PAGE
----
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Opinion Intel’s investment in U.S.-based semiconductor manufacturing is great news. We need more of that.

Intel chief executive Patrick Gelsinger speaks about his company's announcement to invest in an Ohio chip-making facility at a White House news conference Jan. 21. (Andrew Harnik/AP)
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Some good news for American workers and our national security: Intel announced on Friday that it intends to build a new semiconductor manufacturing plant in Ohio. There could be even more good news like this if the government committed to supporting more such investments.

Manufacturing provides good jobs for many Americans, especially those without four-year college degrees. They may not be cutting-edge or terribly exciting, as I know well. I spent two summers working on the line in a plant dipping silicon wafers in acid for eight hours a day to ensure there were no impurities. Standing on one’s feet moving wafers from one acid vat to another did not exactly tax the mind, but it did provide a steady income for my co-workers and their families.

The average manufacturing wage of $24 an hour may not sound like much, but it’s better money than many can make in retail jobs or in the leisure and hospitality sector. For many with only a high school diploma, it’s the difference between a shot at the middle class and life in poverty.

Semiconducting manufacturing is especially important to the country. Semiconductors are the lifeblood of the modern economy, as the global chip shortage has shown. That means that any world power must have an ample supply of them in case of conflict. Today, the United States is dependent upon Asian exporters such as Taiwan, South Korea and Japan for its chip supply. That exposes our economy to pressure from Communist China, giving Beijing another potential lever to expand its malign influence.

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The pandemic also exposed how dependent the free world is on goods manufactured in China or nations within its potential sphere of military influence. China produces nearly 29 percent of the world’s manufacturing output, roughly as much as the United States, Germany and Japan combined. Nearly half of the world’s supply of ingredients needed for medicines is produced in China, and Chinese firms dominate the world’s market for medical protective gear. China is also the world’s largest exporter of steel, and other Asian nations such as South Korea and Vietnam rely heavily on Chinese steel for their products. The list goes on and on, but the overall picture is clear: Outsourcing manufacturing to China and other Asian nations has created massive security risks even as it saved consumers billions of dollars.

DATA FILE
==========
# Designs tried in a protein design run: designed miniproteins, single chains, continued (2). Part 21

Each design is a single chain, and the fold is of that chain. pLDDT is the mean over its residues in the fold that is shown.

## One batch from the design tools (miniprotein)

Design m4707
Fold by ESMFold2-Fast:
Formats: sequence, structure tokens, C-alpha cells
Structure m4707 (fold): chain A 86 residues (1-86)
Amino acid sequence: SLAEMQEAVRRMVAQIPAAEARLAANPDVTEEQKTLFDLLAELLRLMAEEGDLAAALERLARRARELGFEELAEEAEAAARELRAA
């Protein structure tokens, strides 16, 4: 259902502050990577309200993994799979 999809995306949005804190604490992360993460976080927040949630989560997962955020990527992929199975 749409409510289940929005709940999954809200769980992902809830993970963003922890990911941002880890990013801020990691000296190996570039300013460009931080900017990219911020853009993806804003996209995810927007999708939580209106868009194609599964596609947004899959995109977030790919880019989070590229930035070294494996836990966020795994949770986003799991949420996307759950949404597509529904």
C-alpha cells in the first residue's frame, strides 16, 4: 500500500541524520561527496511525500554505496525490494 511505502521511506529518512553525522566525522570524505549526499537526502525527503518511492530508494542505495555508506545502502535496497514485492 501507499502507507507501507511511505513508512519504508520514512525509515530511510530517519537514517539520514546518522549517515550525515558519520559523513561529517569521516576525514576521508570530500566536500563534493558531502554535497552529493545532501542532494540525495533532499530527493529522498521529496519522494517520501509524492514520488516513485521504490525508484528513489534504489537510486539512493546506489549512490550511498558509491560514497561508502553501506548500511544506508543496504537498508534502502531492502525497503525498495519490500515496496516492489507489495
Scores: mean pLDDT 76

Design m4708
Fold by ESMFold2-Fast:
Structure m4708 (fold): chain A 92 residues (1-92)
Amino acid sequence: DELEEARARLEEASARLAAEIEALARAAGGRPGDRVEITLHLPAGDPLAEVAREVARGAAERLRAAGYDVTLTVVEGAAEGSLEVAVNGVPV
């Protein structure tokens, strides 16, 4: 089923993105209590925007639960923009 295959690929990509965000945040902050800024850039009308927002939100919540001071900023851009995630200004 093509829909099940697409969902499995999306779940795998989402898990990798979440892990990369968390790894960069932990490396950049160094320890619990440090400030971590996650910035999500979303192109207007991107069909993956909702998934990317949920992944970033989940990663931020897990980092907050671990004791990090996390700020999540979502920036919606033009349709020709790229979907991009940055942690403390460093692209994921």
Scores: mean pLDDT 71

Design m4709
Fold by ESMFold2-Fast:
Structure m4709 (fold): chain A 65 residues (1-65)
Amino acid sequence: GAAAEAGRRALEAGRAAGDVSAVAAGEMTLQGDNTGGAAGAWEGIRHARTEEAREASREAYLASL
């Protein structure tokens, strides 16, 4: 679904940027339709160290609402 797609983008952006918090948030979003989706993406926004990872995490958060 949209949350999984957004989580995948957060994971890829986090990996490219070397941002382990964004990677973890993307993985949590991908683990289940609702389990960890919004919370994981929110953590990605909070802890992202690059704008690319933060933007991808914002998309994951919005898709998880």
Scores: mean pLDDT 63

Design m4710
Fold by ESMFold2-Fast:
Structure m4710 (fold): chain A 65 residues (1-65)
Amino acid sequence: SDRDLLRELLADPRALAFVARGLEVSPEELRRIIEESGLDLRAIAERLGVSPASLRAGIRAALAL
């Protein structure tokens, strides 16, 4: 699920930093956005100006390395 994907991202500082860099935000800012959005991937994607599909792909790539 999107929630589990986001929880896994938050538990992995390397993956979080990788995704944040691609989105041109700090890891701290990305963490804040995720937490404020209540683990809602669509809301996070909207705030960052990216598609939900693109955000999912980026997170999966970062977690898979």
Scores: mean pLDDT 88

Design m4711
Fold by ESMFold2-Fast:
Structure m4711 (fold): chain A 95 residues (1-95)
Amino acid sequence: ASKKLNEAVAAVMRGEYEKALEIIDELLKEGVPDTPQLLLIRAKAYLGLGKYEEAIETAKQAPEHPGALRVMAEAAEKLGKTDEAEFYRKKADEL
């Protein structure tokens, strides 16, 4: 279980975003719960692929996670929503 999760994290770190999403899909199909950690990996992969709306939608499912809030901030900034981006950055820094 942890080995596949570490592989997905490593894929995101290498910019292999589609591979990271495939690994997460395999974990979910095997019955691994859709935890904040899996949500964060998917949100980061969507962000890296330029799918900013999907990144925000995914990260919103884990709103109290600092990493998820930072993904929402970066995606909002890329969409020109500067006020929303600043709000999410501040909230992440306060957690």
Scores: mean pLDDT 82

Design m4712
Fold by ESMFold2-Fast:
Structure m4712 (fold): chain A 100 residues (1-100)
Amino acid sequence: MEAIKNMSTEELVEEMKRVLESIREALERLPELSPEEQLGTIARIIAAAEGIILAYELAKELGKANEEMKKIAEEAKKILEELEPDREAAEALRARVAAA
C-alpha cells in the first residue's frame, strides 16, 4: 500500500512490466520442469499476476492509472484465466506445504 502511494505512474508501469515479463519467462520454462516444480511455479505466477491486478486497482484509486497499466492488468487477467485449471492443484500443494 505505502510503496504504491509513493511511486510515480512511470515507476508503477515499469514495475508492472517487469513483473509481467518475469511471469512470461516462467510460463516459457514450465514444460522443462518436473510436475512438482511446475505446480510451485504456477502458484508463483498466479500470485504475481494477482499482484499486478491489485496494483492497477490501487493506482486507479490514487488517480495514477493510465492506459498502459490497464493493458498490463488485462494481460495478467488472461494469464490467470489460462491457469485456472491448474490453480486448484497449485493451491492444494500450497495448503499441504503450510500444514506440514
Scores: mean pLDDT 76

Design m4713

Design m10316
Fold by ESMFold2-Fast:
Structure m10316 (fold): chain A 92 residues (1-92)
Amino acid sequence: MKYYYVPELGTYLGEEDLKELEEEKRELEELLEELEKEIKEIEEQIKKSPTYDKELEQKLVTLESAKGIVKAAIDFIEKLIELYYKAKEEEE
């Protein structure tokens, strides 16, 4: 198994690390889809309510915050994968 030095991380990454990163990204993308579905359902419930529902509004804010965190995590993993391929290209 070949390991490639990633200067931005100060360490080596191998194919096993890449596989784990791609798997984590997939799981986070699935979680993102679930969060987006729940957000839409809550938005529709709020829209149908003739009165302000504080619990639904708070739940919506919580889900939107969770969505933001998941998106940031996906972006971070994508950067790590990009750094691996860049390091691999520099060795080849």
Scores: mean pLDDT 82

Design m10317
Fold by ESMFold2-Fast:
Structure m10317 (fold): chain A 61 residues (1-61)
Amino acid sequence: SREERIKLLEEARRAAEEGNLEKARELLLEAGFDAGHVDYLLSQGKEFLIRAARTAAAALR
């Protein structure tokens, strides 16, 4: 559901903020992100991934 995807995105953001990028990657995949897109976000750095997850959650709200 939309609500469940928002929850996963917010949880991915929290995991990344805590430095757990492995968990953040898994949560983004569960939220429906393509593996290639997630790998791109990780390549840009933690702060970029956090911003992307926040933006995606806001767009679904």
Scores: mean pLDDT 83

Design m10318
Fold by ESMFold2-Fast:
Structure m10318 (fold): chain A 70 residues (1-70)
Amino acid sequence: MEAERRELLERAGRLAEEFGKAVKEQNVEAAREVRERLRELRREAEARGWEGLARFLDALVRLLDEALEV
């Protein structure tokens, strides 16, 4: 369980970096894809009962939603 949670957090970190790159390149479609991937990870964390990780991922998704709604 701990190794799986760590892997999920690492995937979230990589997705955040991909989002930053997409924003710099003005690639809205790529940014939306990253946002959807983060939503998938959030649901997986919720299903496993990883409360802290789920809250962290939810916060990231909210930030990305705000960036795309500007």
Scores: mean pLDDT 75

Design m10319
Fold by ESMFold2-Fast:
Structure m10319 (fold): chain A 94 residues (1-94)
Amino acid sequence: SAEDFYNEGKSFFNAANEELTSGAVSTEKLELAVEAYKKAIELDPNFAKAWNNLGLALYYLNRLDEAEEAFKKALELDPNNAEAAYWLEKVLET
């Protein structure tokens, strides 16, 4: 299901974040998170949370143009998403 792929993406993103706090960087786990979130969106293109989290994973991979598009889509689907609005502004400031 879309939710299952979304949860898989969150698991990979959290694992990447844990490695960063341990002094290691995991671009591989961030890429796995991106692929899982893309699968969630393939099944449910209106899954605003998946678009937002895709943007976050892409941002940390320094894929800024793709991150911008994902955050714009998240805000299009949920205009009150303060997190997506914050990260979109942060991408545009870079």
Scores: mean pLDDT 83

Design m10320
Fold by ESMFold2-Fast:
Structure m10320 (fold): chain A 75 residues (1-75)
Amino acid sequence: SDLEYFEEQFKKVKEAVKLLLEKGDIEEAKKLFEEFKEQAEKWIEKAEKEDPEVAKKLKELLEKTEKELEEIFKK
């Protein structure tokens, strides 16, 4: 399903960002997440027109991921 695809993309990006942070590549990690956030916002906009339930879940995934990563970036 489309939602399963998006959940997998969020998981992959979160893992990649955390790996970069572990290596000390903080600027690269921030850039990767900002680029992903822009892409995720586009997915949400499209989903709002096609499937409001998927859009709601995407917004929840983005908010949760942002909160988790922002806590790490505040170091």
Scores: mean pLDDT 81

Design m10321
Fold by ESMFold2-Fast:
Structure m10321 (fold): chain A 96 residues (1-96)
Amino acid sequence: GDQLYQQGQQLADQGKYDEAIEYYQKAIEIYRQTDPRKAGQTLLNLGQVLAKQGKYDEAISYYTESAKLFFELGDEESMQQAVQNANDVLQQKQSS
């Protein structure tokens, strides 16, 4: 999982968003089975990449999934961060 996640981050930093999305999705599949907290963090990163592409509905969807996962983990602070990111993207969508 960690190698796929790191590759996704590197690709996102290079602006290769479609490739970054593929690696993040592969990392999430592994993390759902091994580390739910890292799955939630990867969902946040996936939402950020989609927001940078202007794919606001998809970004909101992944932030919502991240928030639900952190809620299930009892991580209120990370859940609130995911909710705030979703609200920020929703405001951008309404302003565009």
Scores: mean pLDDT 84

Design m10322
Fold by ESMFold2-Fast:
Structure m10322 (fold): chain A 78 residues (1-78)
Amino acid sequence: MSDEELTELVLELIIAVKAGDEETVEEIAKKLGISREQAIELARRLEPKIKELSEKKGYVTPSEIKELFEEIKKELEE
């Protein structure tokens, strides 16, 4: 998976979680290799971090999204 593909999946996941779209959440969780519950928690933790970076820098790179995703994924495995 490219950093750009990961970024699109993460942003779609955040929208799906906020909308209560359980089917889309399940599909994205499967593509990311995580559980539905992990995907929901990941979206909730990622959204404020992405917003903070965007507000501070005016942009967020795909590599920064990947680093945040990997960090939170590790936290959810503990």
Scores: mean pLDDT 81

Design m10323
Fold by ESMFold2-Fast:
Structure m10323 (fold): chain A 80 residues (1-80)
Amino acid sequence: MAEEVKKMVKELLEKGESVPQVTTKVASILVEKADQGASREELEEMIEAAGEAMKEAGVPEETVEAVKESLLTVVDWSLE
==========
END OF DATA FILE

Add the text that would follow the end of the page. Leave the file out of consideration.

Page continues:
It’s thus in the national interest for the U.S. government to bring as many of those jobs back as possible. This would raise wages for lower-skilled workers and create a virtuous circle that would likely increase the labor supply while also helping those most hurt by globalization. It would also reduce U.S. exposure to Chinese blackmail or blockade, enhancing our ability to maintain global leadership. The more the United States can produce domestically or in nearby nations far from Chinese influence, the more freedom of action we possess globally.

But this won’t happen without government intervention. Lower wages and weaker environmental laws abroad tip the scales in favor of shipping manufacturing offshore. Individual firms make investment decisions to pad their own bottom lines, not the nation’s. If we want more manufacturing at home to enhance domestic tranquility and national security, we will have to pay for it collectively. That means some combination of subsidy and tariff protection that will reverse the free trade consensus that has reigned for decades.

Overcoming that dominant paradigm won’t be easy. Economic libertarians will resist the increased government power that will come from this. Individual firms will be leery of the move, as many clearly benefit from the present arrangement and are unsure how they will fare under a new economic order. If the government tries to micromanage investments too much, it will inevitably pick many losers as well as winners. That is not only bad for the economy, but also raises the temptation for corruption.

The alternatives, however, are far worse. Great powers have lost wars when too dependent on overseas supply. Athens did not lose the Peloponnesian War to Sparta because its enemies took their city; it lost because Sparta successfully blocked the shipment of grain from the Black Sea that fed the city. Germany almost brought Britain to its knees in both world wars by using submarines to cut off the nation’s supply lines. This has never happened to the United States because it has always been largely self-sufficient. Globalization, however, has removed that ancient advantage and exposed America as a result.

U.S. domestic economic power allowed it to become the global superpower, facilitating the spread of freedom worldwide. Bringing manufacturing home, thus, won’t just enrich American workers; it will enrich the world.